Poetry, like ancient pottery, often comes to us in pieces. Language and ceramics are worn down by history and innovation until they are re-discovered, and then reassembled into new lines, shapes, and functions. Or, in the case of a particular transmedia project by Toronto poet, filmmaker and journalist Ann Shin you can smash your family china and tchotchke into tiny little bits, then reassemble their stories and meanings into whatever form suits you.
Gallagher-esque in delivery, but innovative in narrative concept and design, Shin opens up her second collection of poetry, The Family China, to readers and festival goers alike. Her work explores the brackish lines in which humanity interacts, particularly between family members in a place of diaspora which one calls home, wherever that may be.
|Ann Shin's next project: pseudo grunge band/performance act called "Smashing Watermelons".|
Consider moving day, wherein one's lease on a particular plot of habitation is at its end. One has to decide what to bring and what to leave behind, which may be both liberating and traumatizing. Then, at a new destination, the individual's way of being is unpacked and reassembled. Things go in different places. Some things might be missing, and some new things take their place.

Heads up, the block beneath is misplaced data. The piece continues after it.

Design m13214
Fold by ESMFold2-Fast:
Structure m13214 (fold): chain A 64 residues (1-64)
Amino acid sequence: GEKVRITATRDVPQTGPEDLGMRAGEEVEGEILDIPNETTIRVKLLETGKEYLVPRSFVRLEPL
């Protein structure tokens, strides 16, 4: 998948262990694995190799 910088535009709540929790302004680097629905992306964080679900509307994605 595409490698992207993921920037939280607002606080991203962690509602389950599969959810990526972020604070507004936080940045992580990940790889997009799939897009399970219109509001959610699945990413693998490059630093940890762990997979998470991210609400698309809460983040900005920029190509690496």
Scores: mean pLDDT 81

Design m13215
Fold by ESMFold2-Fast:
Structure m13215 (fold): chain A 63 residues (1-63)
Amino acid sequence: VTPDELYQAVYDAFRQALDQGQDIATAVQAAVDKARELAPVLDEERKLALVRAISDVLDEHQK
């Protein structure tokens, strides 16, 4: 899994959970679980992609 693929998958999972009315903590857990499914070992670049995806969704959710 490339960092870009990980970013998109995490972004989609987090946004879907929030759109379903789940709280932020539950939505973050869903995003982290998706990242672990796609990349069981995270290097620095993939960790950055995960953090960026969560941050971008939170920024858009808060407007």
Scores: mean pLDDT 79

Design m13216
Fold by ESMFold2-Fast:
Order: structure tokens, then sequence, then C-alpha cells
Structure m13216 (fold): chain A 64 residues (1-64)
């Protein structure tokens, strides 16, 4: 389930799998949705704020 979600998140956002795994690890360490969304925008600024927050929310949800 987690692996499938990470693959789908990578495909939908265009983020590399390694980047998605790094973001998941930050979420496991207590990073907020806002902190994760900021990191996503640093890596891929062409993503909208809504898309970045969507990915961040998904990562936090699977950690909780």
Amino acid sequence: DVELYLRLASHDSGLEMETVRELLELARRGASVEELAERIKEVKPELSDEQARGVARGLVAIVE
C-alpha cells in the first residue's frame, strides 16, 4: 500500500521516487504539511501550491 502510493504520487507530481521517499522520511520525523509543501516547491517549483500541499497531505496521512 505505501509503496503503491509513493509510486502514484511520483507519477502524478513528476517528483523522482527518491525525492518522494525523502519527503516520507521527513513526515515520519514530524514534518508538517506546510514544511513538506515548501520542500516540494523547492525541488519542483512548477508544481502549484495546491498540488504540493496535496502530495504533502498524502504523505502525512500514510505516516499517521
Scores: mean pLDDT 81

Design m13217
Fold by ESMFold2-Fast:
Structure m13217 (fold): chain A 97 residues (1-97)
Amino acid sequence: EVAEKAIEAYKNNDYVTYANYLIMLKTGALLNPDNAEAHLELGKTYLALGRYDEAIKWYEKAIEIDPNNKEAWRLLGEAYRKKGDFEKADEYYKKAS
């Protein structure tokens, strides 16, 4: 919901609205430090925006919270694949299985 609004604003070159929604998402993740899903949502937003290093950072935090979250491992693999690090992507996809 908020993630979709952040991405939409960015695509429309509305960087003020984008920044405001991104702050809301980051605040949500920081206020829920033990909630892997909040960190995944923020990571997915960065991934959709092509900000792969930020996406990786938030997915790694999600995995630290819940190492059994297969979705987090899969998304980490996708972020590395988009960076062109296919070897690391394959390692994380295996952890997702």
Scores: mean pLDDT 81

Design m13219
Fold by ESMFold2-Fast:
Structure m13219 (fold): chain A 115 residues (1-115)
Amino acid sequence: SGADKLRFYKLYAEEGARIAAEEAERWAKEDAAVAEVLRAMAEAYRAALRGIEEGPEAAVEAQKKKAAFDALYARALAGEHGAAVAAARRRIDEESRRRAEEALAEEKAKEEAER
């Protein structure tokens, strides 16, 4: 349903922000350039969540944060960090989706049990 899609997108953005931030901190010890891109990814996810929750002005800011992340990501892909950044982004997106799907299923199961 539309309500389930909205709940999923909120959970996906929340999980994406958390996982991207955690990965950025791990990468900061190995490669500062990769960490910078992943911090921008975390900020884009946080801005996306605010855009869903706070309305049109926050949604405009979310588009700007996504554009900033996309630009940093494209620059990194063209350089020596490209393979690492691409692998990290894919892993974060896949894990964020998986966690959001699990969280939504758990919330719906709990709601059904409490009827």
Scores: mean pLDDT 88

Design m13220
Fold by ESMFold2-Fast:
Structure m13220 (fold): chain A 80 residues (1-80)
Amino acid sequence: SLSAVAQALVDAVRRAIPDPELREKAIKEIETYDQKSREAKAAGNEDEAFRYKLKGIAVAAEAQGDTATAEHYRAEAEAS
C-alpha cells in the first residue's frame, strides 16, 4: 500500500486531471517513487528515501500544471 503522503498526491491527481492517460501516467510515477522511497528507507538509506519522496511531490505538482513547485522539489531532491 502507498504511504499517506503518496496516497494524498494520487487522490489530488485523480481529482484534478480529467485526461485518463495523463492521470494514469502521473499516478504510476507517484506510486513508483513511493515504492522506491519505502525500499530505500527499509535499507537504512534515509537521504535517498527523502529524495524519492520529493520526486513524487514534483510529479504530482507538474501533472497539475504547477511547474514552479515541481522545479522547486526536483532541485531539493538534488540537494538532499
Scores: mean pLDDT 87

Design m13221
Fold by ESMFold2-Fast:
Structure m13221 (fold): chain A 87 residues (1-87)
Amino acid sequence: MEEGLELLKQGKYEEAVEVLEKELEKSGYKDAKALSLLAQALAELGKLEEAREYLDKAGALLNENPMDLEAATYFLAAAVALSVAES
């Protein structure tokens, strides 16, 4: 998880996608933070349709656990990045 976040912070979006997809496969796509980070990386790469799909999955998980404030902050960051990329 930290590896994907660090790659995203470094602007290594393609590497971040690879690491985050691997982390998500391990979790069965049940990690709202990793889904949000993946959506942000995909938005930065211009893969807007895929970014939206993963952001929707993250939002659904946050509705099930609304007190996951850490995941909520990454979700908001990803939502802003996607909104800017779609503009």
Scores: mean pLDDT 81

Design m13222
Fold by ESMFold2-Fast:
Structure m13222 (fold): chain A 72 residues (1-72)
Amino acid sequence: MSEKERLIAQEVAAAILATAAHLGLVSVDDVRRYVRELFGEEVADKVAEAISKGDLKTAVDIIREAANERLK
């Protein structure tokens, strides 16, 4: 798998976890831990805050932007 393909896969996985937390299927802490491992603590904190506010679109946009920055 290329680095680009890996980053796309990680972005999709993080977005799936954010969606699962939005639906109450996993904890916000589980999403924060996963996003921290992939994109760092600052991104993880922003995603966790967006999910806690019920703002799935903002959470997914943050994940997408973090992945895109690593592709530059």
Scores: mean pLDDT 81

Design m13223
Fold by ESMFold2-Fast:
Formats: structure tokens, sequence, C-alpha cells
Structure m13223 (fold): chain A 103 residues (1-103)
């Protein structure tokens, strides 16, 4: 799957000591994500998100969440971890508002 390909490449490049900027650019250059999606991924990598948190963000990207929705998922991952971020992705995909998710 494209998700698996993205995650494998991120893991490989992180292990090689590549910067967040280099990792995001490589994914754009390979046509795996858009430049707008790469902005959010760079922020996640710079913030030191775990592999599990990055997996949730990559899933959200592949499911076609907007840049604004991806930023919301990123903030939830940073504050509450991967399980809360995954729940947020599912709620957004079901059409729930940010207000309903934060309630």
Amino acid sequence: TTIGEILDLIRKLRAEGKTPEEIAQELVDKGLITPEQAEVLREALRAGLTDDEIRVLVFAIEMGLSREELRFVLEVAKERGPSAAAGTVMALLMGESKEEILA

In the process of deconstructing, building, and transforming, we adapt and define ourselves. And sometimes, it's really fun to smash the crap out of junk you don't need anymore. This is also a part of Shin's on stage antics, as illustrated by this article. Shin has been known to invite audience members on stage to literally smash their heirlooms and knick-knacks to bits, then share a story in a little bit of show and tell. As anyone can imagine, it must be a cathartic and liberating experience as any, and it sure makes for a memorable literary event.
Come see Ann Shin at Thin Air's mainstage event "Changing the Family Channel" on Tuesday, September 24, and listen in on a discussion on letting go of objects with Cassie Stocks, Lauren B. Davis, and Andrew Kaufman.